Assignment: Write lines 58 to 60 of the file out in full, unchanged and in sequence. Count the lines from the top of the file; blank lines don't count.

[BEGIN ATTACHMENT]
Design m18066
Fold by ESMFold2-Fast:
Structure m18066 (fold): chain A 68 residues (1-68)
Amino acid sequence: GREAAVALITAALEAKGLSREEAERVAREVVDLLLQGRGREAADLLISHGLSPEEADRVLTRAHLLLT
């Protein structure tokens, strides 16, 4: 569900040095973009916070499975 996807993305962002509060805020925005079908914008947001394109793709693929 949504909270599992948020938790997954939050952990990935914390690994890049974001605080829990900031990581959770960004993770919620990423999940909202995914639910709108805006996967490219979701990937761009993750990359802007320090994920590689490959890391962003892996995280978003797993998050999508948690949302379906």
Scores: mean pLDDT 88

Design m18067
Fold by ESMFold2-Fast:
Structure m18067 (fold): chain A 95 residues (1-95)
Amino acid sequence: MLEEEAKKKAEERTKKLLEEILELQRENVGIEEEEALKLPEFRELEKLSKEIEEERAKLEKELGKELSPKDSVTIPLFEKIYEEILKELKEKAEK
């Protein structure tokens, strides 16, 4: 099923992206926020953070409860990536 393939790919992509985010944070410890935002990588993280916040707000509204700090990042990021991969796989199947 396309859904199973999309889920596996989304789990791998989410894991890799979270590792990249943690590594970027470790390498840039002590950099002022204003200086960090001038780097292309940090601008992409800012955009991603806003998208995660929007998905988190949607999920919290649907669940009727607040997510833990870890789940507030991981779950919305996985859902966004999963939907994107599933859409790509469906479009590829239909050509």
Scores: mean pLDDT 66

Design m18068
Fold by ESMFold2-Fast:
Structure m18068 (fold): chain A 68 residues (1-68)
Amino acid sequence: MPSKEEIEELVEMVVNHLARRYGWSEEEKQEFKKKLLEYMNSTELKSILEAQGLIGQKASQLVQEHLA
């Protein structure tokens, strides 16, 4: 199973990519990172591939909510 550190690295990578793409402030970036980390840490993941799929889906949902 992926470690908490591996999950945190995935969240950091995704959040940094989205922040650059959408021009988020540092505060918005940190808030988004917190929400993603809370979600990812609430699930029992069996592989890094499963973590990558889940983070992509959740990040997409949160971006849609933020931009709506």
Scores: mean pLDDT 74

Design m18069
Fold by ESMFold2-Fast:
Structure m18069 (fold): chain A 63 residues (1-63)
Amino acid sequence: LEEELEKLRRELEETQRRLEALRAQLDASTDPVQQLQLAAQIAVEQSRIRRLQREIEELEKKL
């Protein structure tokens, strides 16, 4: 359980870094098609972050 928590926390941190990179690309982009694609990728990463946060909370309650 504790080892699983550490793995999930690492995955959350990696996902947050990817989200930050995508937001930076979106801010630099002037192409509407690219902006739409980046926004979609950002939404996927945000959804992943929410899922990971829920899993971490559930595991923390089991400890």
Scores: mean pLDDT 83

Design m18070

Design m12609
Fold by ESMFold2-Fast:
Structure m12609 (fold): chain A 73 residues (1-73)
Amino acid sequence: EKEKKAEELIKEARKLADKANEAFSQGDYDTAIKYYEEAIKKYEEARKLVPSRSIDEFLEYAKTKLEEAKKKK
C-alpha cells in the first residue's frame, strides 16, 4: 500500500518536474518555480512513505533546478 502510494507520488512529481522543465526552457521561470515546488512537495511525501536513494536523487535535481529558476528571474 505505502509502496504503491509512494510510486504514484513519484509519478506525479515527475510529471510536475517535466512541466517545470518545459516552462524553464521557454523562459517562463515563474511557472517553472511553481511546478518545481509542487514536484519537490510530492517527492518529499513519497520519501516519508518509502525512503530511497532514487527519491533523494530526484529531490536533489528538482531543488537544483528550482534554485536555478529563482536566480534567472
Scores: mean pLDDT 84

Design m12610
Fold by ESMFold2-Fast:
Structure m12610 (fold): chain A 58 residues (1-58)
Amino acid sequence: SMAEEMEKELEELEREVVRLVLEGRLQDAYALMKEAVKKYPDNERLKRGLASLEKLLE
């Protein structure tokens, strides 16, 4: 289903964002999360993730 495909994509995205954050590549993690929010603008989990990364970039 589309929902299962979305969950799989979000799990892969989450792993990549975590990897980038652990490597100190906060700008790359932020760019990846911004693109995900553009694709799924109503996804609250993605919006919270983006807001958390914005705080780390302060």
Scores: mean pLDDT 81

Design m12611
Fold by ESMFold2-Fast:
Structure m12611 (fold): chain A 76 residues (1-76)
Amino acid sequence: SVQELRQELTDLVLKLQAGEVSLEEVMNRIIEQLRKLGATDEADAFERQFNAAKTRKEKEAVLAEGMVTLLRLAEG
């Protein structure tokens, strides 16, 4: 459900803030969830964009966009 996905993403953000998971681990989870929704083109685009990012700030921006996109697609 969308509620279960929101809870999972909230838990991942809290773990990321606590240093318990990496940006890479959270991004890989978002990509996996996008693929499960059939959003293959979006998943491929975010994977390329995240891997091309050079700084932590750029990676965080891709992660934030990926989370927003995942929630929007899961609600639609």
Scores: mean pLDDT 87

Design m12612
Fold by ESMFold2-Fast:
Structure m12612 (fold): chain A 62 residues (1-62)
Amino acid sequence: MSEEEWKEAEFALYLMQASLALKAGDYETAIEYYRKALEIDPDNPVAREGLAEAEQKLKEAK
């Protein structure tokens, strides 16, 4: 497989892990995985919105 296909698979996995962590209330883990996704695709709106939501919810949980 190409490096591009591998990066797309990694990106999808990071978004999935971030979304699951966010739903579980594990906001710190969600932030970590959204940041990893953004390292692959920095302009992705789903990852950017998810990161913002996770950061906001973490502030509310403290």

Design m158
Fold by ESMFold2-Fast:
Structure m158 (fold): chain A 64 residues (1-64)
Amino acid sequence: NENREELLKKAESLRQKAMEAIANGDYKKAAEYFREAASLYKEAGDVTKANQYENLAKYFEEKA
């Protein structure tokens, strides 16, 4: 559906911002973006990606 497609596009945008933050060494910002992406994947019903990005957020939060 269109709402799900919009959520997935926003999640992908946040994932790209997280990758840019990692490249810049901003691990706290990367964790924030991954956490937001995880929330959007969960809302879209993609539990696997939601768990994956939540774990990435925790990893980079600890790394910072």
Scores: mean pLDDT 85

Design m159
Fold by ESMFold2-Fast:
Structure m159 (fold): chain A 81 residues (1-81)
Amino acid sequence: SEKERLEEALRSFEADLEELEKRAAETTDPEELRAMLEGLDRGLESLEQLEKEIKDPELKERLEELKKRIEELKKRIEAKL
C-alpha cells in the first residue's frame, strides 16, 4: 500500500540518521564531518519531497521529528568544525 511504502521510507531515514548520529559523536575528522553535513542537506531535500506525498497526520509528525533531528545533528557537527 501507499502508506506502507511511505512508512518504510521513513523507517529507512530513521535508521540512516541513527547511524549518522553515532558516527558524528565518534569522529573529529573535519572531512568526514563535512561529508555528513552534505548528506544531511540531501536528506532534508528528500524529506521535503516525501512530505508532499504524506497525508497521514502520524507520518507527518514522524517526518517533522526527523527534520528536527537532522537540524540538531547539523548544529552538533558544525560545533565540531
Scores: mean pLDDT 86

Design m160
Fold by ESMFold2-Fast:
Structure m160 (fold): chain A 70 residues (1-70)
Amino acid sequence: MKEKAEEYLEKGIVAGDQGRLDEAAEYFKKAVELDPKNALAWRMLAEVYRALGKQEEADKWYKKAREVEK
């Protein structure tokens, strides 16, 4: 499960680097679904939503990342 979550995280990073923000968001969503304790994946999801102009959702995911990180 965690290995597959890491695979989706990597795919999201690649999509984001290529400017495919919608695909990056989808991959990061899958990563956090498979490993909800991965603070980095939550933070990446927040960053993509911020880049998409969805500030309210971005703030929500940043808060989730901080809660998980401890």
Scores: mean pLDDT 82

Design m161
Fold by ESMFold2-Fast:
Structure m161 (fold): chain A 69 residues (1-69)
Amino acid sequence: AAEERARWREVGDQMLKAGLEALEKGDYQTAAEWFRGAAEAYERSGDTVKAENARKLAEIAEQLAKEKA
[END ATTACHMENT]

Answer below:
Amino acid sequence: SEKERLEEALRSFEADLEELEKRAAETTDPEELRAMLEGLDRGLESLEQLEKEIKDPELKERLEELKKRIEELKKRIEAKL
C-alpha cells in the first residue's frame, strides 16, 4: 500500500540518521564531518519531497521529528568544525 511504502521510507531515514548520529559523536575528522553535513542537506531535500506525498497526520509528525533531528545533528557537527 501507499502508506506502507511511505512508512518504510521513513523507517529507512530513521535508521540512516541513527547511524549518522553515532558516527558524528565518534569522529573529529573535519572531512568526514563535512561529508555528513552534505548528506544531511540531501536528506532534508528528500524529506521535503516525501512530505508532499504524506497525508497521514502520524507520518507527518514522524517526518517533522526527523527534520528536527537532522537540524540538531547539523548544529552538533558544525560545533565540531
Scores: mean pLDDT 86